attended by Rhodes. The conference fol-
lowed a special meeting of the Cornell
Board which formally approved Rhodes'
nomination.
Rhodes will replace Dale Corson, pres-
ident of Cornell since 1969, who had in-
dicated his intention to retire July 1,
1977.
Purcell described Michigan's vice-
president as "represent(ing) the very
characteristics we sought in an edu-
cat w --- snlid academic credentials,
da monstrated administrative ability, high
q'iality of leadership, strength of per-
srnahty, a deep moral commitment to
education and a commitment to affirma;
tive action."
IN A PREPARED statement released
in A~nn Arbor, Rhodes said the Cornell
post "presents a challenge and an op-

Cornell
portunity to contribute to the future of
higher education."
He called his decision "painful and
difficult" to make because of strong
emotional ties to the University and to
Ann Arbor.
Rhodes, 50, came to Michigan in 1968
as a professor of zoology. He was ap-
painted dean of the College of Litera-
ture. Science and the Arts in 1971 and
becanme vice-president for academic af-
fairs in 19~4. Before coming to Michigan,
Rhodes served.-as head of the geology
department at the University of Wales
in Swansea, Wales.
ADMINISTRATION and faculty mem-
bers expressed uniform regret at Rhodes'
departure.
See RHODES, Page 8

post

Rhodes : On to Cornell

'U,,

FS

reach

alMIgree e t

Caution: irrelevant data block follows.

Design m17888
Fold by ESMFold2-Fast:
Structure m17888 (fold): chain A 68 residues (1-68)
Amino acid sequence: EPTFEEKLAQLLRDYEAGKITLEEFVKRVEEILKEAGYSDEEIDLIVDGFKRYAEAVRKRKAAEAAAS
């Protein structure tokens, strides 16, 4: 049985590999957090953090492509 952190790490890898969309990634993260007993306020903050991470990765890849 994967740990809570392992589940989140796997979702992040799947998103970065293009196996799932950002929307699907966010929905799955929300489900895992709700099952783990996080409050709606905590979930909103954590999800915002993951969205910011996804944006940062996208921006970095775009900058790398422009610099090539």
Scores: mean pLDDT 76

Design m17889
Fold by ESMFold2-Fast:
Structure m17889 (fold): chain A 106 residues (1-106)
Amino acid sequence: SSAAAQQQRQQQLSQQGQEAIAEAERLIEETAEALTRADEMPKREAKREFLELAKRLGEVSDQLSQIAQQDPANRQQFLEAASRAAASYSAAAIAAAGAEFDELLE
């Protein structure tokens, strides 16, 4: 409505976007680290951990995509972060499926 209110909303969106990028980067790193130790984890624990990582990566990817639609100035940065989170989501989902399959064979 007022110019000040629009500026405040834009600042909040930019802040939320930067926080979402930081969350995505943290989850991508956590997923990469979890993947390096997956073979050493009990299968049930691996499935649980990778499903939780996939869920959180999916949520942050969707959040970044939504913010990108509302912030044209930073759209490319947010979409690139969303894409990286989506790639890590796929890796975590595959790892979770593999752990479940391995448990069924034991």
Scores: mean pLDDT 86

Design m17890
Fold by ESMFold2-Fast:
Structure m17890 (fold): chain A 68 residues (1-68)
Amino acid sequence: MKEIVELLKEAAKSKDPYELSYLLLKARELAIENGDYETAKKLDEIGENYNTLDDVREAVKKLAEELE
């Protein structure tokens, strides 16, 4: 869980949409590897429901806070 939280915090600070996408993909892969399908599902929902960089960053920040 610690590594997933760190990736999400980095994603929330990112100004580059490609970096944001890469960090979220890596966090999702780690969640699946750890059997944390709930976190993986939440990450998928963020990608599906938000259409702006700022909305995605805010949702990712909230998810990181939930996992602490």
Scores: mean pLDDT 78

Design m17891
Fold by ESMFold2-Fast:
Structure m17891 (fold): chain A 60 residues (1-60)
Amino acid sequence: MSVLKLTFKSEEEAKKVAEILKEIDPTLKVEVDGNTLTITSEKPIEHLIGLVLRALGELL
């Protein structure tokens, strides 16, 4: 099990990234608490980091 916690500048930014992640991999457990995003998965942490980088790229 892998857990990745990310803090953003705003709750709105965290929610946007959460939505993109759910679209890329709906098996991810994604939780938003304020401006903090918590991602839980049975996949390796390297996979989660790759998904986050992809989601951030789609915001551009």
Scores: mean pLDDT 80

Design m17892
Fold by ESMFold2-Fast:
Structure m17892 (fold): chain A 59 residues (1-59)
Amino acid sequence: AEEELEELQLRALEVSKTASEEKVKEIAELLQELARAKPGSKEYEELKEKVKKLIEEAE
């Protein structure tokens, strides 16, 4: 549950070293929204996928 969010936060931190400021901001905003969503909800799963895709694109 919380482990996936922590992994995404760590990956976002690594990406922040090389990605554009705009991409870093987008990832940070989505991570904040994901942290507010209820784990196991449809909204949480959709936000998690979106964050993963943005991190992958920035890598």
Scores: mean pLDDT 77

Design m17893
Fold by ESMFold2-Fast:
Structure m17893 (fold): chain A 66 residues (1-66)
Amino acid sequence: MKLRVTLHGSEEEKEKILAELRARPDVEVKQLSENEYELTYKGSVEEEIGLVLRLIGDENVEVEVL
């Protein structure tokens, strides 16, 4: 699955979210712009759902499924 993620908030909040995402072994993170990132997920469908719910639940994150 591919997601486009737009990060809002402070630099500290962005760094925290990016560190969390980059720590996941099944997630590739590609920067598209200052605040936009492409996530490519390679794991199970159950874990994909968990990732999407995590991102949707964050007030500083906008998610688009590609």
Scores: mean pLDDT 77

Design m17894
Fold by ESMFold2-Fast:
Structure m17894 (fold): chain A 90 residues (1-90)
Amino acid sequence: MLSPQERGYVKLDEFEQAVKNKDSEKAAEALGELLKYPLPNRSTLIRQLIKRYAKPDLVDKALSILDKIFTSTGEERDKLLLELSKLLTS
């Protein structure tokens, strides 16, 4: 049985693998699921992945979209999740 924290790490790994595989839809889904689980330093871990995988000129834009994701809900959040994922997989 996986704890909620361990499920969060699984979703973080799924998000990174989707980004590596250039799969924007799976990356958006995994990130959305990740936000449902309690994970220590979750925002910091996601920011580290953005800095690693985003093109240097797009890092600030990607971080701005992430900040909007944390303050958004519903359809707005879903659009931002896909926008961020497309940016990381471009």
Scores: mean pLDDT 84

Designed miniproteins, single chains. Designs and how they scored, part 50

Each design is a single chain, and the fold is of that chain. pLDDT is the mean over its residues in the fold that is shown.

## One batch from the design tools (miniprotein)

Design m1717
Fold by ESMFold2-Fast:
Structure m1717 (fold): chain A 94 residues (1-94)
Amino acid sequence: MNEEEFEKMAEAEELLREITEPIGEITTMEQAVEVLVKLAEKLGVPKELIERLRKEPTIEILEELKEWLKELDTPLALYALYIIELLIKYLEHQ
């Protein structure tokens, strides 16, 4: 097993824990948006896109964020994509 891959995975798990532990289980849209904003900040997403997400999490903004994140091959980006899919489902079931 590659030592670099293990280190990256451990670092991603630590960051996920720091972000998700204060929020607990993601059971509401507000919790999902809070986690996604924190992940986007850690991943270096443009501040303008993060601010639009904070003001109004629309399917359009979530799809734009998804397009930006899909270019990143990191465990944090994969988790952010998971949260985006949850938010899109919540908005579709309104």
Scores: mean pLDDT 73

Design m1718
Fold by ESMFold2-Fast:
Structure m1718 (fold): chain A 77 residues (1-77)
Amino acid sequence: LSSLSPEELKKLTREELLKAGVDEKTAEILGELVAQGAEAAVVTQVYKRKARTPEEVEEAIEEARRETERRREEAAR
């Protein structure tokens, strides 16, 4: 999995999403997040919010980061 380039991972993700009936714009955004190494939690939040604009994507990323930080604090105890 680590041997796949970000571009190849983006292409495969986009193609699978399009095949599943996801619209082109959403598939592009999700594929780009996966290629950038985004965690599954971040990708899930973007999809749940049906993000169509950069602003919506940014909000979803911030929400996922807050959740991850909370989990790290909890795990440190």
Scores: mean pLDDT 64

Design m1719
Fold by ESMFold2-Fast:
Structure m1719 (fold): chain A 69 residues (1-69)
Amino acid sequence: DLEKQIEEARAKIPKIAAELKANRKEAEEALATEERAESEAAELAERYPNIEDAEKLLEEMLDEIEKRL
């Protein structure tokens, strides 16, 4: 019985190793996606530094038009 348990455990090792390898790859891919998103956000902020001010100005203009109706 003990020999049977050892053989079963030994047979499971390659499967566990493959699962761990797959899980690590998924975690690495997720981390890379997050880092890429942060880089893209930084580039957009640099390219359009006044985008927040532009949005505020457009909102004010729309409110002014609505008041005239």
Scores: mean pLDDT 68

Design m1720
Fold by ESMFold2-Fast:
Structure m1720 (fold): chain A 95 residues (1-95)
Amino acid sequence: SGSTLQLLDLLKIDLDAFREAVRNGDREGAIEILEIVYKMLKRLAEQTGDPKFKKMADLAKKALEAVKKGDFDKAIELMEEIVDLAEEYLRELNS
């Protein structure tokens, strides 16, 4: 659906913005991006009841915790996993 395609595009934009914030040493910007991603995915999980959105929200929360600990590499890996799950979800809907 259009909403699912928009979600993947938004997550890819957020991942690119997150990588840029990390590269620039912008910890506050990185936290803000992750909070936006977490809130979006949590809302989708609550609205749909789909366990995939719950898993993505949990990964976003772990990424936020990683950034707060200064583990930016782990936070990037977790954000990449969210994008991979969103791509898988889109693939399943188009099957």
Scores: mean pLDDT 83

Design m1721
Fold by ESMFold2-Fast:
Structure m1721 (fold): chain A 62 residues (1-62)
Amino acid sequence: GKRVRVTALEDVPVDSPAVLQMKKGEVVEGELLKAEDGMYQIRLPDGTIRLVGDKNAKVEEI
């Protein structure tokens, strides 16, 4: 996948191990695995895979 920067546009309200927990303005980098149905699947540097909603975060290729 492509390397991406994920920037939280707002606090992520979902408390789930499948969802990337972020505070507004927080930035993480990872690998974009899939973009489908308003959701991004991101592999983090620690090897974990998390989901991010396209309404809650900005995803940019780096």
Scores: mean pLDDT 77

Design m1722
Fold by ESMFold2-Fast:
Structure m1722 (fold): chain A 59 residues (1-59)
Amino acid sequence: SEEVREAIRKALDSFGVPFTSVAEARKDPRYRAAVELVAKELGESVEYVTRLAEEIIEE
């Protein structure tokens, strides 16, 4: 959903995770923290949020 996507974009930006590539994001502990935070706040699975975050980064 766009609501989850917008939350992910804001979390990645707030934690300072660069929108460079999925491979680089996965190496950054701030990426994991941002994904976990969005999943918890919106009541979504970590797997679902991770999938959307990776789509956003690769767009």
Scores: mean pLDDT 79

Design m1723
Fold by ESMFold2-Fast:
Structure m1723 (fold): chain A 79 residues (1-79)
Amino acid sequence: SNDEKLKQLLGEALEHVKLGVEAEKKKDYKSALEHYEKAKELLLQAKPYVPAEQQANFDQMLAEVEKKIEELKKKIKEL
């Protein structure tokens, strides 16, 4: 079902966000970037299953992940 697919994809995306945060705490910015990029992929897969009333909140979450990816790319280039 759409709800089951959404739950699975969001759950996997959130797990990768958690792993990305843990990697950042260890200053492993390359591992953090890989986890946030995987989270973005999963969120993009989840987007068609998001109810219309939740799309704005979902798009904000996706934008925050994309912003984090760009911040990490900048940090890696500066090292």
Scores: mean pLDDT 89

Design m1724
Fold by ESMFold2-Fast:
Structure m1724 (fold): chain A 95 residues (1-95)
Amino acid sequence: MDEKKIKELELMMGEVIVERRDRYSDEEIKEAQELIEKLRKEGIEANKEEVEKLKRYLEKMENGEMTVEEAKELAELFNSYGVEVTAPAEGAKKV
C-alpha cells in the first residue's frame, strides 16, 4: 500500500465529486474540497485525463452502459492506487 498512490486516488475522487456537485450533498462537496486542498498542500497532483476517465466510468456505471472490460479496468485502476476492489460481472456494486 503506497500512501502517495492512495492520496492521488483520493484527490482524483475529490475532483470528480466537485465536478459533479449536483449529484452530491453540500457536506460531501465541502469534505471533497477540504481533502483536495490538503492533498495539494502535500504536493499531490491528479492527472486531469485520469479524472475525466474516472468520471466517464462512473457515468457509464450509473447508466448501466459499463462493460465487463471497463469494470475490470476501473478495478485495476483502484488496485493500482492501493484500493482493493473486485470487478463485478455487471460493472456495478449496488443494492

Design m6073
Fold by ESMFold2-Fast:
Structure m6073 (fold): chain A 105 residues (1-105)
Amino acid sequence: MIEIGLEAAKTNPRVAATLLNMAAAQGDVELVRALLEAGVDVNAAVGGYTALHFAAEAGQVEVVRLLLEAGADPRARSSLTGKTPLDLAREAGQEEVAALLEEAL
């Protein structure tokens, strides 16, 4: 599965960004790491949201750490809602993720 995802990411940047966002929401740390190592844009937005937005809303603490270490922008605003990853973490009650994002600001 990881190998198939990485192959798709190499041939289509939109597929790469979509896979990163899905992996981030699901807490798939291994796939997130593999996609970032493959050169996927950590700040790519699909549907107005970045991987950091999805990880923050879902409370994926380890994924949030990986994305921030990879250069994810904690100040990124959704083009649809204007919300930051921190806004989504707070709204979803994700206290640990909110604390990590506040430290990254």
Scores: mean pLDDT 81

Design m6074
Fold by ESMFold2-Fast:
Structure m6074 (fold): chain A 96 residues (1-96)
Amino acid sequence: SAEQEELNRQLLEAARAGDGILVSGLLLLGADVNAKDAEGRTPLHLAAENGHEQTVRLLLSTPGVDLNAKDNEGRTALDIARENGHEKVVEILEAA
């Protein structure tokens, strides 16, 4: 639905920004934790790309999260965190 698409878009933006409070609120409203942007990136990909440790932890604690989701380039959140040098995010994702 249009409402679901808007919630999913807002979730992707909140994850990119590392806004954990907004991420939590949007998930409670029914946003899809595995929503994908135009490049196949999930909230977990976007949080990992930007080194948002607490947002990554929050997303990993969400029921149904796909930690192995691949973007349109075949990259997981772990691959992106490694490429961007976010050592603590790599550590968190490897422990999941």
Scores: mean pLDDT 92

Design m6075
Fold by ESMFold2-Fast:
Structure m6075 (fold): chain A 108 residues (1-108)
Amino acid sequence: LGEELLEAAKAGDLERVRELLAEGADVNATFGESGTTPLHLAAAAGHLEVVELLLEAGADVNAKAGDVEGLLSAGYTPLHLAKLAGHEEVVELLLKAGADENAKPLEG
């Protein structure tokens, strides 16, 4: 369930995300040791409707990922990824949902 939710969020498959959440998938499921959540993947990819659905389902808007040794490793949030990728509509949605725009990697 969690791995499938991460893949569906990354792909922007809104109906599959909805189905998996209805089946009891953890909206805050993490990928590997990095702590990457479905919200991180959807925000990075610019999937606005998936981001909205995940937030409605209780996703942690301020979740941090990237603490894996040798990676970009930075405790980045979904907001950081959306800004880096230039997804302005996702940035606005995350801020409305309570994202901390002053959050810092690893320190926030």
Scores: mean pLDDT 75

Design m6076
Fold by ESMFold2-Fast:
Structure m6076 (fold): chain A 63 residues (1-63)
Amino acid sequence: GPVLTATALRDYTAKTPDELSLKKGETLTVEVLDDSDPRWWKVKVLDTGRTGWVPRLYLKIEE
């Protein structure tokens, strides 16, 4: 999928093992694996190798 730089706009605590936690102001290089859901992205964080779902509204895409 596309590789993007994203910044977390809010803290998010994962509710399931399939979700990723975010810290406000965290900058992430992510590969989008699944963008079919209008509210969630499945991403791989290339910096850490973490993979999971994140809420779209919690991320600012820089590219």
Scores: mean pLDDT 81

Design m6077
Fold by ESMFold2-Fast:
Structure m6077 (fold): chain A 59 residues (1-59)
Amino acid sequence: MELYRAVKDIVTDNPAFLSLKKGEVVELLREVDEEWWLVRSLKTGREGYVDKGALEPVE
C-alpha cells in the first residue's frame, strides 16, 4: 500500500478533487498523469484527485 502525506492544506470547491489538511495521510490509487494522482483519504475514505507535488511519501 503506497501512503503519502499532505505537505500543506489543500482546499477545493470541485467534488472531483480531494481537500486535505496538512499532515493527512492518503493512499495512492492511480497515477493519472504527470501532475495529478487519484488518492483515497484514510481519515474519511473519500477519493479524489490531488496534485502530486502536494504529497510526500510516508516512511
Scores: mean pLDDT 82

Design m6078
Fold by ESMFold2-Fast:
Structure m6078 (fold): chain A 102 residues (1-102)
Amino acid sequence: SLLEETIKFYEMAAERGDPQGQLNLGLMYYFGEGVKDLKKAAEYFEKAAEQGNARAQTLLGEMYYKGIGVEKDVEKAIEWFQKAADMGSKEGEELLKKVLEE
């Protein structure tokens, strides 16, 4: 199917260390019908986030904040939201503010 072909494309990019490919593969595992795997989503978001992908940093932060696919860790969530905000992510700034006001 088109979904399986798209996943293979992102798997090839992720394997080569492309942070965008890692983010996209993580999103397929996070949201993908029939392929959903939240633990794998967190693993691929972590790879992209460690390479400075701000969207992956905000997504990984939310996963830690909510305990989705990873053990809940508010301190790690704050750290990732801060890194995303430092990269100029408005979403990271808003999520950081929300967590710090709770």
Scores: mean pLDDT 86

By BOB ROSENBAUM
Negoiators reached a tentative agree-
ment yesterday afternoon on a new con-
tract between the University and the
American Federation of State, County and
Municipal Employes (AFSCME, L o c a l
1583), preventing the union's first campus
strike in six years.
The only step left before signing the
contract is ratification of the settlement
by union membership. AFSCME officials
admit that step may be a hurdle.
UNION employes will vote on ratification next
Tuesday. They could force a resumption of ne-
gotiations if the tentative agreement is re-
jected.
While .union bargainers said they were pleased
with tie agreement, AFSCME Local President
Joel Block said last night that he found the-
University's final offer "totally unacceptable."

I will be issuing a statement to the member-
ship explaining my reasons," he said. Block, who
was not a member of the union's negotiating
team, refused to make any further comment.
THE UNIVERSITY and the union - which re-
presents over 2,300 food service, hospital, main-
tenance and grounds workers on campus - end-
ed their talks yesterday after agreeing on an
economic settlement drafted by state-appointed
mediator Thomas Badoud.
Badoud was not originally expected to be pre-
sent at yesterday's session, but was able to re-
work his schedule at the last minute.